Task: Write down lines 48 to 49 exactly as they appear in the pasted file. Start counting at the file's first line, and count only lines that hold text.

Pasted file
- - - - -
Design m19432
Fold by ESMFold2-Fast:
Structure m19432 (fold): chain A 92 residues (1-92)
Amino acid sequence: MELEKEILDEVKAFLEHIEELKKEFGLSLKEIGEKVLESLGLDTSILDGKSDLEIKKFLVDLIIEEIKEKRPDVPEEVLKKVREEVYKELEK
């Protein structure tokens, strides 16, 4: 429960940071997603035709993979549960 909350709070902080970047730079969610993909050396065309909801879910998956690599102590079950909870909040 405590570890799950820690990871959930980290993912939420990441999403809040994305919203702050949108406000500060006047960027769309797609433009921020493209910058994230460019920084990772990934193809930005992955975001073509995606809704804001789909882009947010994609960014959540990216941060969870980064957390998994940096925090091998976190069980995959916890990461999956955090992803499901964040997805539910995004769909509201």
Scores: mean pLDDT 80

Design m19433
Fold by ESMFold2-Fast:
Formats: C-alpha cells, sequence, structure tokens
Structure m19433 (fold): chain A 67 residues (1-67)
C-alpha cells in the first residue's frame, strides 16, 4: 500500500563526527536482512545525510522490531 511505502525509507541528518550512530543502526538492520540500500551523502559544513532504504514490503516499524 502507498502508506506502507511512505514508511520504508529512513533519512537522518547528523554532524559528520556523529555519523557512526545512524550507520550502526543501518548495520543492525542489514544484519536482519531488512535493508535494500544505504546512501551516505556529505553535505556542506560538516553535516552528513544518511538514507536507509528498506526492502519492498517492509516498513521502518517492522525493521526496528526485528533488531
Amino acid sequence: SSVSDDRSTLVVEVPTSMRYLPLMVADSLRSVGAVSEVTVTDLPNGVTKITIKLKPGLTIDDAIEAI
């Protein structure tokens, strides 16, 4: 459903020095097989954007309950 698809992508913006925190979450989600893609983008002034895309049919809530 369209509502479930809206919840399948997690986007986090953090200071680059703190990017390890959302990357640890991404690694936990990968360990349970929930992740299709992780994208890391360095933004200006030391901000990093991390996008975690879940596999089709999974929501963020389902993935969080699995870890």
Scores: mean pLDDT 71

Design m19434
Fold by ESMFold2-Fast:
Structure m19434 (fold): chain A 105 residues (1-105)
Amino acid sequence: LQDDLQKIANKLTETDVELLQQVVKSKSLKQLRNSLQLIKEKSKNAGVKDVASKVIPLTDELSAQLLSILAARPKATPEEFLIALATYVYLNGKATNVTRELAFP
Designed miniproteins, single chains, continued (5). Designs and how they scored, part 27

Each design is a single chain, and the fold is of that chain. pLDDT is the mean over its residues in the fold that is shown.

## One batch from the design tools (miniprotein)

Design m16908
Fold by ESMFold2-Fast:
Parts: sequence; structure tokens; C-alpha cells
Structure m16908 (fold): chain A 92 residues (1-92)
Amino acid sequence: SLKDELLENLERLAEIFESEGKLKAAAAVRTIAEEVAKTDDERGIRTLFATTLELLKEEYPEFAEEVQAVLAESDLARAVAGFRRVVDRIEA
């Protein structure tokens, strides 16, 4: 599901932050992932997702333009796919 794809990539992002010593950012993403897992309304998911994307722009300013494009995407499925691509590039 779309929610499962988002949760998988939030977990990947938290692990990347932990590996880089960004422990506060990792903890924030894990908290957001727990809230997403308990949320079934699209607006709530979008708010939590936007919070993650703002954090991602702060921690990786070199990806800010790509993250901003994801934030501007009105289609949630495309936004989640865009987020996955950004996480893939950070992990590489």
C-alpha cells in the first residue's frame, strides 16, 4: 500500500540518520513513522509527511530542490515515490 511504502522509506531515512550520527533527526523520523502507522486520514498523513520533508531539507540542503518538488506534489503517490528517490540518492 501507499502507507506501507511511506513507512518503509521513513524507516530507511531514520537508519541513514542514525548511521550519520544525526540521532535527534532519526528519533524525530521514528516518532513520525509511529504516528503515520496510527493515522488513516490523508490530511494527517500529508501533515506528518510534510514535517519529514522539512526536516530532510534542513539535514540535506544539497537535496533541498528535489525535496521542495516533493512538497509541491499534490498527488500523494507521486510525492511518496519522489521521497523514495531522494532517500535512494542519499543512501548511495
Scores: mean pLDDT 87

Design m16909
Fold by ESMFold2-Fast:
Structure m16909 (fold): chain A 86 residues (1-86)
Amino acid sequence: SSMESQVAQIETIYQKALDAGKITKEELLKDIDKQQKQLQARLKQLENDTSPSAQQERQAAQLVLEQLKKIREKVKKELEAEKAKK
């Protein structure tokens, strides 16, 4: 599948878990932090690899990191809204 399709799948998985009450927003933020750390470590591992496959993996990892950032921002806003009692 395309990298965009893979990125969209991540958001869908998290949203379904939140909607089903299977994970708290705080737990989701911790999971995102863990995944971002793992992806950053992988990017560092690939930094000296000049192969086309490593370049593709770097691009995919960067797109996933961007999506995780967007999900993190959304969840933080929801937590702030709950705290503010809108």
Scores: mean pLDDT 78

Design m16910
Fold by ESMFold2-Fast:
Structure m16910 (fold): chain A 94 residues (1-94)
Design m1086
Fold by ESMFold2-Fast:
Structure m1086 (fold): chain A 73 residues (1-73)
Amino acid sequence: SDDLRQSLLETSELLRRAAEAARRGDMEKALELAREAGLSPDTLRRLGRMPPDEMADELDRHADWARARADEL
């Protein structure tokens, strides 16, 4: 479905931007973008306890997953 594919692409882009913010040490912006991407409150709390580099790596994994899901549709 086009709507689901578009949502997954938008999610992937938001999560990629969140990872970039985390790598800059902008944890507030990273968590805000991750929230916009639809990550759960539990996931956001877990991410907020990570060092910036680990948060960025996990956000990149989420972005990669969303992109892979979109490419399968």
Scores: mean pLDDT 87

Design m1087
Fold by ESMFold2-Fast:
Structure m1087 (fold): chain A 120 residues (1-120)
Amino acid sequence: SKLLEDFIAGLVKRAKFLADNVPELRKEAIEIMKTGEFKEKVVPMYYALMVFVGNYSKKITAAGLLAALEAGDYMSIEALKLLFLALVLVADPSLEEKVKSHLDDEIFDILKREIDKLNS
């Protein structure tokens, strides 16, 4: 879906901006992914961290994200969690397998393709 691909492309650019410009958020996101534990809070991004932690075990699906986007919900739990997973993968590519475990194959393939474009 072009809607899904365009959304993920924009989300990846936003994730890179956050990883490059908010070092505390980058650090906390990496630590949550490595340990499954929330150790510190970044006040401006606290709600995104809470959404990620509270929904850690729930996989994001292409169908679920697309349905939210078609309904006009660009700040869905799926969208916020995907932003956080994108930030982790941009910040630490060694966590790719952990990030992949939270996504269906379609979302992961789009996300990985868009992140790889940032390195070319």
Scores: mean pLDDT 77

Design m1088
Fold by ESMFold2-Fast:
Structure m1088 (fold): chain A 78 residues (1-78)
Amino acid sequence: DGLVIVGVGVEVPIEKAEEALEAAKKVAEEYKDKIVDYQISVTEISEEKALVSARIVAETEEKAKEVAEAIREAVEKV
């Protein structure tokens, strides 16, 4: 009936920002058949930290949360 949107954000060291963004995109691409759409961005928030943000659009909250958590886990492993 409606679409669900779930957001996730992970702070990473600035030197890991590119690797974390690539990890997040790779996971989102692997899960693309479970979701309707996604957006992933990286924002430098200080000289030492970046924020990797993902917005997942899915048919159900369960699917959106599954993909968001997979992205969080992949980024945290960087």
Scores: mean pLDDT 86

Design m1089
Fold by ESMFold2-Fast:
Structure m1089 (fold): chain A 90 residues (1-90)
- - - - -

Amino acid sequence: SKLLEDFIAGLVKRAKFLADNVPELRKEAIEIMKTGEFKEKVVPMYYALMVFVGNYSKKITAAGLLAALEAGDYMSIEALKLLFLALVLVADPSLEEKVKSHLDDEIFDILKREIDKLNS
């Protein structure tokens, strides 16, 4: 879906901006992914961290994200969690397998393709 691909492309650019410009958020996101534990809070991004932690075990699906986007919900739990997973993968590519475990194959393939474009 072009809607899904365009959304993920924009989300990846936003994730890179956050990883490059908010070092505390980058650090906390990496630590949550490595340990499954929330150790510190970044006040401006606290709600995104809470959404990620509270929904850690729930996989994001292409169908679920697309349905939210078609309904006009660009700040869905799926969208916020995907932003956080994108930030982790941009910040630490060694966590790719952990990030992949939270996504269906379609979302992961789009996300990985868009992140790889940032390195070319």